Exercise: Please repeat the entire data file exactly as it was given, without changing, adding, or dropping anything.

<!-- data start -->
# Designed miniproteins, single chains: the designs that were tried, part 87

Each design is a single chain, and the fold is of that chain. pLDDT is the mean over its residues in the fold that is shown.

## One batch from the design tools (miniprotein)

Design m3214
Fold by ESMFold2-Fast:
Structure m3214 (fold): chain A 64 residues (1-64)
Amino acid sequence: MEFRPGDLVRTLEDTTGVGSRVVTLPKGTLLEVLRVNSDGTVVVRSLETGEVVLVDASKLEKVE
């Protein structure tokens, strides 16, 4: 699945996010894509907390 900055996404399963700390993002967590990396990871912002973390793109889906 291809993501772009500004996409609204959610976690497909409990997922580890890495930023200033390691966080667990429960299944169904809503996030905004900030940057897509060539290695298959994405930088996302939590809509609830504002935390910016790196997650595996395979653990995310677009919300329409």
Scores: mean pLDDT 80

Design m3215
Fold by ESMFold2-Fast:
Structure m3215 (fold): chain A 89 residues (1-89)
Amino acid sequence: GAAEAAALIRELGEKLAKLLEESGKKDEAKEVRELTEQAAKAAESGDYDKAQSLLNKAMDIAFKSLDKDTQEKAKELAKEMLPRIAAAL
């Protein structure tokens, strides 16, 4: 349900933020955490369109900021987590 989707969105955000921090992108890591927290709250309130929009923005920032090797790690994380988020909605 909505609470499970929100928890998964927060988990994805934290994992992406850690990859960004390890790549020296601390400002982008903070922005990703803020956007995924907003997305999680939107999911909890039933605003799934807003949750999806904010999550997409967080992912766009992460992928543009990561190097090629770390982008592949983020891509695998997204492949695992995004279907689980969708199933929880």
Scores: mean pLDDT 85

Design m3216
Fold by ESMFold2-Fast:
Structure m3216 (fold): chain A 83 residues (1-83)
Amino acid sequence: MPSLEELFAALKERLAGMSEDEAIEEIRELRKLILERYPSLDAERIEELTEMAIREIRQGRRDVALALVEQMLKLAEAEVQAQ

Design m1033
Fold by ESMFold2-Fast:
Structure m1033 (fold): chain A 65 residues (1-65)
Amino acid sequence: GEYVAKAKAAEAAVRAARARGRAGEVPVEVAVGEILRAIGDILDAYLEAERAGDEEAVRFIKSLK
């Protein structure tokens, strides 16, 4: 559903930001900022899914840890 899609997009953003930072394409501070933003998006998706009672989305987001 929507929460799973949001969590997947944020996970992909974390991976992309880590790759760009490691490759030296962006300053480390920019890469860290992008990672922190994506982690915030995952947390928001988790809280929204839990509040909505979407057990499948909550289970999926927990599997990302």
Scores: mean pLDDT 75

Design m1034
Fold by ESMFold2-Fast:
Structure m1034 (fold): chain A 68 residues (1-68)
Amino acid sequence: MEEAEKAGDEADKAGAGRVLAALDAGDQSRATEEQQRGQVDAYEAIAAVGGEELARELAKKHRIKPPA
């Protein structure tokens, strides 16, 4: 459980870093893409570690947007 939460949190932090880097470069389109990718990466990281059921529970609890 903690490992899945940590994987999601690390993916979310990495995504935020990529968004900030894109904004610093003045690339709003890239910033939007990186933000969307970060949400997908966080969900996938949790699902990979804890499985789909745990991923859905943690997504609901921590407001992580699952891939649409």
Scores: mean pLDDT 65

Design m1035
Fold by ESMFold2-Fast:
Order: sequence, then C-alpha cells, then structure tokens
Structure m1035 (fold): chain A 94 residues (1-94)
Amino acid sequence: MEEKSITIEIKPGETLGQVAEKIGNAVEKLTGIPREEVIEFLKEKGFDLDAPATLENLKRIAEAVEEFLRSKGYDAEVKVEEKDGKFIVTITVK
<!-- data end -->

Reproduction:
# Designed miniproteins, single chains: the designs that were tried, part 87

Each design is a single chain, and the fold is of that chain. pLDDT is the mean over its residues in the fold that is shown.

## One batch from the design tools (miniprotein)

Design m3214
Fold by ESMFold2-Fast:
Structure m3214 (fold): chain A 64 residues (1-64)
Amino acid sequence: MEFRPGDLVRTLEDTTGVGSRVVTLPKGTLLEVLRVNSDGTVVVRSLETGEVVLVDASKLEKVE
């Protein structure tokens, strides 16, 4: 699945996010894509907390 900055996404399963700390993002967590990396990871912002973390793109889906 291809993501772009500004996409609204959610976690497909409990997922580890890495930023200033390691966080667990429960299944169904809503996030905004900030940057897509060539290695298959994405930088996302939590809509609830504002935390910016790196997650595996395979653990995310677009919300329409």
Scores: mean pLDDT 80

Design m3215
Fold by ESMFold2-Fast:
Structure m3215 (fold): chain A 89 residues (1-89)
Amino acid sequence: GAAEAAALIRELGEKLAKLLEESGKKDEAKEVRELTEQAAKAAESGDYDKAQSLLNKAMDIAFKSLDKDTQEKAKELAKEMLPRIAAAL
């Protein structure tokens, strides 16, 4: 349900933020955490369109900021987590 989707969105955000921090992108890591927290709250309130929009923005920032090797790690994380988020909605 909505609470499970929100928890998964927060988990994805934290994992992406850690990859960004390890790549020296601390400002982008903070922005990703803020956007995924907003997305999680939107999911909890039933605003799934807003949750999806904010999550997409967080992912766009992460992928543009990561190097090629770390982008592949983020891509695998997204492949695992995004279907689980969708199933929880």
Scores: mean pLDDT 85

Design m3216
Fold by ESMFold2-Fast:
Structure m3216 (fold): chain A 83 residues (1-83)
Amino acid sequence: MPSLEELFAALKERLAGMSEDEAIEEIRELRKLILERYPSLDAERIEELTEMAIREIRQGRRDVALALVEQMLKLAEAEVQAQ

Design m1033
Fold by ESMFold2-Fast:
Structure m1033 (fold): chain A 65 residues (1-65)
Amino acid sequence: GEYVAKAKAAEAAVRAARARGRAGEVPVEVAVGEILRAIGDILDAYLEAERAGDEEAVRFIKSLK
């Protein structure tokens, strides 16, 4: 559903930001900022899914840890 899609997009953003930072394409501070933003998006998706009672989305987001 929507929460799973949001969590997947944020996970992909974390991976992309880590790759760009490691490759030296962006300053480390920019890469860290992008990672922190994506982690915030995952947390928001988790809280929204839990509040909505979407057990499948909550289970999926927990599997990302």
Scores: mean pLDDT 75

Design m1034
Fold by ESMFold2-Fast:
Structure m1034 (fold): chain A 68 residues (1-68)
Amino acid sequence: MEEAEKAGDEADKAGAGRVLAALDAGDQSRATEEQQRGQVDAYEAIAAVGGEELARELAKKHRIKPPA
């Protein structure tokens, strides 16, 4: 459980870093893409570690947007 939460949190932090880097470069389109990718990466990281059921529970609890 903690490992899945940590994987999601690390993916979310990495995504935020990529968004900030894109904004610093003045690339709003890239910033939007990186933000969307970060949400997908966080969900996938949790699902990979804890499985789909745990991923859905943690997504609901921590407001992580699952891939649409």
Scores: mean pLDDT 65

Design m1035
Fold by ESMFold2-Fast:
Order: sequence, then C-alpha cells, then structure tokens
Structure m1035 (fold): chain A 94 residues (1-94)
Amino acid sequence: MEEKSITIEIKPGETLGQVAEKIGNAVEKLTGIPREEVIEFLKEKGFDLDAPATLENLKRIAEAVEEFLRSKGYDAEVKVEEKDGKFIVTITVK